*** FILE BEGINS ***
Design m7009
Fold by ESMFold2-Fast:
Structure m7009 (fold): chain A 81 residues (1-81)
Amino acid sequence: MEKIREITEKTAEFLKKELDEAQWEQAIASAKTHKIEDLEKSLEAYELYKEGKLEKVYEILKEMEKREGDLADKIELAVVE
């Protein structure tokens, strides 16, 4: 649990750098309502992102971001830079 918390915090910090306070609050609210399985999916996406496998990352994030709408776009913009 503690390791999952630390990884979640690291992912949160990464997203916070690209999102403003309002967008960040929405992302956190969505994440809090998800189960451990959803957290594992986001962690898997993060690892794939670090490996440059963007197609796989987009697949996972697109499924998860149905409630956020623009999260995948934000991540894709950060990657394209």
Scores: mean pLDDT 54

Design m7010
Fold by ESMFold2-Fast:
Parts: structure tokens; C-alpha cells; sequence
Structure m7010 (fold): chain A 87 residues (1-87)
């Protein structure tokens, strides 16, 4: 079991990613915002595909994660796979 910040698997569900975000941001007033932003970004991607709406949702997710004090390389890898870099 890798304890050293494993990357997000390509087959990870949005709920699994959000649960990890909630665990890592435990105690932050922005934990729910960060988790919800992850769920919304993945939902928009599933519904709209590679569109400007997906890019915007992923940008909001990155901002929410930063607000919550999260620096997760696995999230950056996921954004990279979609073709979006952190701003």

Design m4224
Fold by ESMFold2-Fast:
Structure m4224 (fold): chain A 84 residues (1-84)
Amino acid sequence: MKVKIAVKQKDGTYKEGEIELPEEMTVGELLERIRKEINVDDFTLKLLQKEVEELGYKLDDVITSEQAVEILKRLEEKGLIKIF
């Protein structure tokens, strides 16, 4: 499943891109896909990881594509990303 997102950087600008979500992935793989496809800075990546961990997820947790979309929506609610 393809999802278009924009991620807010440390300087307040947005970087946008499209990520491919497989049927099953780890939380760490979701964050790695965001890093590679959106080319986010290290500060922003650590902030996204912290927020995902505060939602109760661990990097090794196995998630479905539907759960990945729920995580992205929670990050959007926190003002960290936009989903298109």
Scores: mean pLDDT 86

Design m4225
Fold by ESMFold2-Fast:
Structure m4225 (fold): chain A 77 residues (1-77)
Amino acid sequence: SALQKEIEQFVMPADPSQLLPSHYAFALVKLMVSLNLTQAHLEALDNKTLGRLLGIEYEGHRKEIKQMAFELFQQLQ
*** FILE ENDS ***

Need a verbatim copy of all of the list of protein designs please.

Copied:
Design m7009
Fold by ESMFold2-Fast:
Structure m7009 (fold): chain A 81 residues (1-81)
Amino acid sequence: MEKIREITEKTAEFLKKELDEAQWEQAIASAKTHKIEDLEKSLEAYELYKEGKLEKVYEILKEMEKREGDLADKIELAVVE
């Protein structure tokens, strides 16, 4: 649990750098309502992102971001830079 918390915090910090306070609050609210399985999916996406496998990352994030709408776009913009 503690390791999952630390990884979640690291992912949160990464997203916070690209999102403003309002967008960040929405992302956190969505994440809090998800189960451990959803957290594992986001962690898997993060690892794939670090490996440059963007197609796989987009697949996972697109499924998860149905409630956020623009999260995948934000991540894709950060990657394209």
Scores: mean pLDDT 54

Design m7010
Fold by ESMFold2-Fast:
Parts: structure tokens; C-alpha cells; sequence
Structure m7010 (fold): chain A 87 residues (1-87)
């Protein structure tokens, strides 16, 4: 079991990613915002595909994660796979 910040698997569900975000941001007033932003970004991607709406949702997710004090390389890898870099 890798304890050293494993990357997000390509087959990870949005709920699994959000649960990890909630665990890592435990105690932050922005934990729910960060988790919800992850769920919304993945939902928009599933519904709209590679569109400007997906890019915007992923940008909001990155901002929410930063607000919550999260620096997760696995999230950056996921954004990279979609073709979006952190701003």

Design m4224
Fold by ESMFold2-Fast:
Structure m4224 (fold): chain A 84 residues (1-84)
Amino acid sequence: MKVKIAVKQKDGTYKEGEIELPEEMTVGELLERIRKEINVDDFTLKLLQKEVEELGYKLDDVITSEQAVEILKRLEEKGLIKIF
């Protein structure tokens, strides 16, 4: 499943891109896909990881594509990303 997102950087600008979500992935793989496809800075990546961990997820947790979309929506609610 393809999802278009924009991620807010440390300087307040947005970087946008499209990520491919497989049927099953780890939380760490979701964050790695965001890093590679959106080319986010290290500060922003650590902030996204912290927020995902505060939602109760661990990097090794196995998630479905539907759960990945729920995580992205929670990050959007926190003002960290936009989903298109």
Scores: mean pLDDT 86

Design m4225
Fold by ESMFold2-Fast:
Structure m4225 (fold): chain A 77 residues (1-77)
Amino acid sequence: SALQKEIEQFVMPADPSQLLPSHYAFALVKLMVSLNLTQAHLEALDNKTLGRLLGIEYEGHRKEIKQMAFELFQQLQ